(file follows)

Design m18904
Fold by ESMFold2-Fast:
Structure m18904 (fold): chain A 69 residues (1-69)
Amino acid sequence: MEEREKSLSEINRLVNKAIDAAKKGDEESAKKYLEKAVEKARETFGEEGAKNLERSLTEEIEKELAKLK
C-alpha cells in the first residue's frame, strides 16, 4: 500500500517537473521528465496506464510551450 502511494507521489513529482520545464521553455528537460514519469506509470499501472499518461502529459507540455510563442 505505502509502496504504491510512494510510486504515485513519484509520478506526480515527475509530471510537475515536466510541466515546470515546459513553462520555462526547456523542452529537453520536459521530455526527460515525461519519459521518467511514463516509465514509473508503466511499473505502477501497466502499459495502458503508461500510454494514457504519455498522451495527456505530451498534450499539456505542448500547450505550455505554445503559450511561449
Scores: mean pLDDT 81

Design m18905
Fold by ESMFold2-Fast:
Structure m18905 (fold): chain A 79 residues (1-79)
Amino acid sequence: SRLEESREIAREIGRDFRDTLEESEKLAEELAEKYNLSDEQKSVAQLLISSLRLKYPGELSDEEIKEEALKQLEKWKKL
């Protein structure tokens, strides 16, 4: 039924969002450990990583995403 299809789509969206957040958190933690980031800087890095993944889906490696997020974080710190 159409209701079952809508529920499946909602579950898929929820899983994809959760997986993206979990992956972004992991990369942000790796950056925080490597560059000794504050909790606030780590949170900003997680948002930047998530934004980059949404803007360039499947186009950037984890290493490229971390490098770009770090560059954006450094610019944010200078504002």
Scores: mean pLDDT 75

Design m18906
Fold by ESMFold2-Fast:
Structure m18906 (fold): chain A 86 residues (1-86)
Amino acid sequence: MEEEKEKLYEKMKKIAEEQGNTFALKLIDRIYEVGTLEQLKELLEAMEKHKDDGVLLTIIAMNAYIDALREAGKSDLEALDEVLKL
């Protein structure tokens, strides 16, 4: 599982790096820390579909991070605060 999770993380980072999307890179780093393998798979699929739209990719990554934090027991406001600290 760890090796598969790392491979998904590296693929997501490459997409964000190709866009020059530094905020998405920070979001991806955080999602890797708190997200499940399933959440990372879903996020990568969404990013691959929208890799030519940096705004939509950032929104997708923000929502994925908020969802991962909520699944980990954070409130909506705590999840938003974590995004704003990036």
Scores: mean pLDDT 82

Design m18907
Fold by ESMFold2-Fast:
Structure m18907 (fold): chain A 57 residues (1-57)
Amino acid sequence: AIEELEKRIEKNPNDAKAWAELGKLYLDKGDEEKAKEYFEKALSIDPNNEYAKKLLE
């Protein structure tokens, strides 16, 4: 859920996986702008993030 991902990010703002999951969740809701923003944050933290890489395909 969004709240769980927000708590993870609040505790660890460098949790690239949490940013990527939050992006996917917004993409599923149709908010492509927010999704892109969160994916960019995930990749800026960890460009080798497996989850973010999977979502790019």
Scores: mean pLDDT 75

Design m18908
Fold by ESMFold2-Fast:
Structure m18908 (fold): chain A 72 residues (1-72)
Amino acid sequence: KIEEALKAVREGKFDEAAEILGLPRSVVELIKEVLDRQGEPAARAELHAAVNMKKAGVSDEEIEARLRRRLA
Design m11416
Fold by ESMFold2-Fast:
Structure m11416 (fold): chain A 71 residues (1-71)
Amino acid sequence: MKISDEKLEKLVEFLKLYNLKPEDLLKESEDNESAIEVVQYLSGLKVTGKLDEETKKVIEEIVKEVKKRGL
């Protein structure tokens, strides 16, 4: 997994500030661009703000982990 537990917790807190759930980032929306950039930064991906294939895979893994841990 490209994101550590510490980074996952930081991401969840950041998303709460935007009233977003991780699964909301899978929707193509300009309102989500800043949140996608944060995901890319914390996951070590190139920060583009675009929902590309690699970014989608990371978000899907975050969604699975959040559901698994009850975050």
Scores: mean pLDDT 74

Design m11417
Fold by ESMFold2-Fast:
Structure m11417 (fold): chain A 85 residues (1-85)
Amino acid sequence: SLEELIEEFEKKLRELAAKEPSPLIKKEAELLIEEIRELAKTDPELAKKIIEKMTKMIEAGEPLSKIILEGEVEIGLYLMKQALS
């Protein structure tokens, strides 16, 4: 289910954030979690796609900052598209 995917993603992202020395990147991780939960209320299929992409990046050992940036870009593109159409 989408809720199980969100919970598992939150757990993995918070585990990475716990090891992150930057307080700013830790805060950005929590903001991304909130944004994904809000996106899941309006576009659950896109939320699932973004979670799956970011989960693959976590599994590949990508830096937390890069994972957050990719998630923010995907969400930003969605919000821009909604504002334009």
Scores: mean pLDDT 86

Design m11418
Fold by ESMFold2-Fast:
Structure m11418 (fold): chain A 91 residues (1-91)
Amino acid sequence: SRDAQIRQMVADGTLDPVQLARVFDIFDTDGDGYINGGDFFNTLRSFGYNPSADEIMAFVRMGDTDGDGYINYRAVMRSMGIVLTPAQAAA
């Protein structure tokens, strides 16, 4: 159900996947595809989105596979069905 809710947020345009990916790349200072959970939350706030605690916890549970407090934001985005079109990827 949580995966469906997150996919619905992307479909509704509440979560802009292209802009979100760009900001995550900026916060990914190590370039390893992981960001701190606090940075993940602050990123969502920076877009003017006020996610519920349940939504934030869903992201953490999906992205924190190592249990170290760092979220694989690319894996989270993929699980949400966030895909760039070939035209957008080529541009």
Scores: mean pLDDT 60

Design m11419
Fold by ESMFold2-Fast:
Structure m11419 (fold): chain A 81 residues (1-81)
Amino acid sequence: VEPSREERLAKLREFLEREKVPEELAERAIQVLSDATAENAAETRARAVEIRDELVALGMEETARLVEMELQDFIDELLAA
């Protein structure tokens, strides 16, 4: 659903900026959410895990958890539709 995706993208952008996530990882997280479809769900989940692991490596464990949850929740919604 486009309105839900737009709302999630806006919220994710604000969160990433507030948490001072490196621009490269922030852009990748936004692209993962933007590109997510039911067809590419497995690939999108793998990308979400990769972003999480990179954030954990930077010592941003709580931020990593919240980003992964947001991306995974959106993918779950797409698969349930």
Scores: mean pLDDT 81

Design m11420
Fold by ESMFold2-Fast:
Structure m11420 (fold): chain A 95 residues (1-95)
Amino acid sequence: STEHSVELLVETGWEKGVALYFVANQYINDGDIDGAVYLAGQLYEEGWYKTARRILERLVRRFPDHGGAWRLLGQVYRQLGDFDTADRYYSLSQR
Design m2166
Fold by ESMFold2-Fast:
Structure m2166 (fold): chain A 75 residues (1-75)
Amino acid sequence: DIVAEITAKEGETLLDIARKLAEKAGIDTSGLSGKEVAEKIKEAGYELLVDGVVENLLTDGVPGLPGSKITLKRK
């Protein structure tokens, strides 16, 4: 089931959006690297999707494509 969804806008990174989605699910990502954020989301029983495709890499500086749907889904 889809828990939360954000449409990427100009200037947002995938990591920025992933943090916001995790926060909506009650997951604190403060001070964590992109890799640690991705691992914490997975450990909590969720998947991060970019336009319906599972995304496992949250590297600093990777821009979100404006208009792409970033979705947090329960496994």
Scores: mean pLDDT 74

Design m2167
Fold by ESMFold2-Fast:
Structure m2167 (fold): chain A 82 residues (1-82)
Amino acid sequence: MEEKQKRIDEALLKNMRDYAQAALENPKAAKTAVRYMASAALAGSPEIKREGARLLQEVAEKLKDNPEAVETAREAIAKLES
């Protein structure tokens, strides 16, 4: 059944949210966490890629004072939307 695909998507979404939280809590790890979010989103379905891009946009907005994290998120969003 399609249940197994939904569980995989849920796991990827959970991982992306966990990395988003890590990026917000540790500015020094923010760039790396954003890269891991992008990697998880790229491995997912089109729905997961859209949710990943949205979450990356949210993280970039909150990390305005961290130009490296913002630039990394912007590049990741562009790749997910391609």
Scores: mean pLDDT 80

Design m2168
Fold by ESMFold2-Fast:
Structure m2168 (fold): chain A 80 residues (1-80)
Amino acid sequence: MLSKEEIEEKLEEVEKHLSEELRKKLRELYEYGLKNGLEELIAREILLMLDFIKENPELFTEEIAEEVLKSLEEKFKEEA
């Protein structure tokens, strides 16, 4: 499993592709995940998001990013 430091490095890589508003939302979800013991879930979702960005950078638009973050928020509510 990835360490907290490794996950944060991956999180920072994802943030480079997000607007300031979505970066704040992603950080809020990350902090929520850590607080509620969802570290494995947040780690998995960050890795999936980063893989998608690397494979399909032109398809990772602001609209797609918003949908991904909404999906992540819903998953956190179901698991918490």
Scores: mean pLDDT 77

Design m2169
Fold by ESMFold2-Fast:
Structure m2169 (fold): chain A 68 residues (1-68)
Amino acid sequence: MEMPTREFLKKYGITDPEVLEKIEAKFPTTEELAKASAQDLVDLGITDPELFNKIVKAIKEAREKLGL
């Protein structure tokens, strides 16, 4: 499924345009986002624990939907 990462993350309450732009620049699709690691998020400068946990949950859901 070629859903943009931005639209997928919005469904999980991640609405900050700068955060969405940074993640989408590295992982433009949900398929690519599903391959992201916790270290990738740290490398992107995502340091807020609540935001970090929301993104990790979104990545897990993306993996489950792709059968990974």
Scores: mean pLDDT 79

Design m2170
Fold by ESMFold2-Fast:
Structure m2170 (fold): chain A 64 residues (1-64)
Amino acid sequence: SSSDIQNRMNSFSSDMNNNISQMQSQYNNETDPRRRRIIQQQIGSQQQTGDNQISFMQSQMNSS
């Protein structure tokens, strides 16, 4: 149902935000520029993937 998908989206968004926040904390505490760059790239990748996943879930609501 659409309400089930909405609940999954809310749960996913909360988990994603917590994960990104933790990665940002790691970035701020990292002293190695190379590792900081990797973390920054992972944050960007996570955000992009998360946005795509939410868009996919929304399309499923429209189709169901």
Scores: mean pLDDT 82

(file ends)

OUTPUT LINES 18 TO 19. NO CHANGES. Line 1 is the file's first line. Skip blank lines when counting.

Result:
Scores: mean pLDDT 82

Design m18907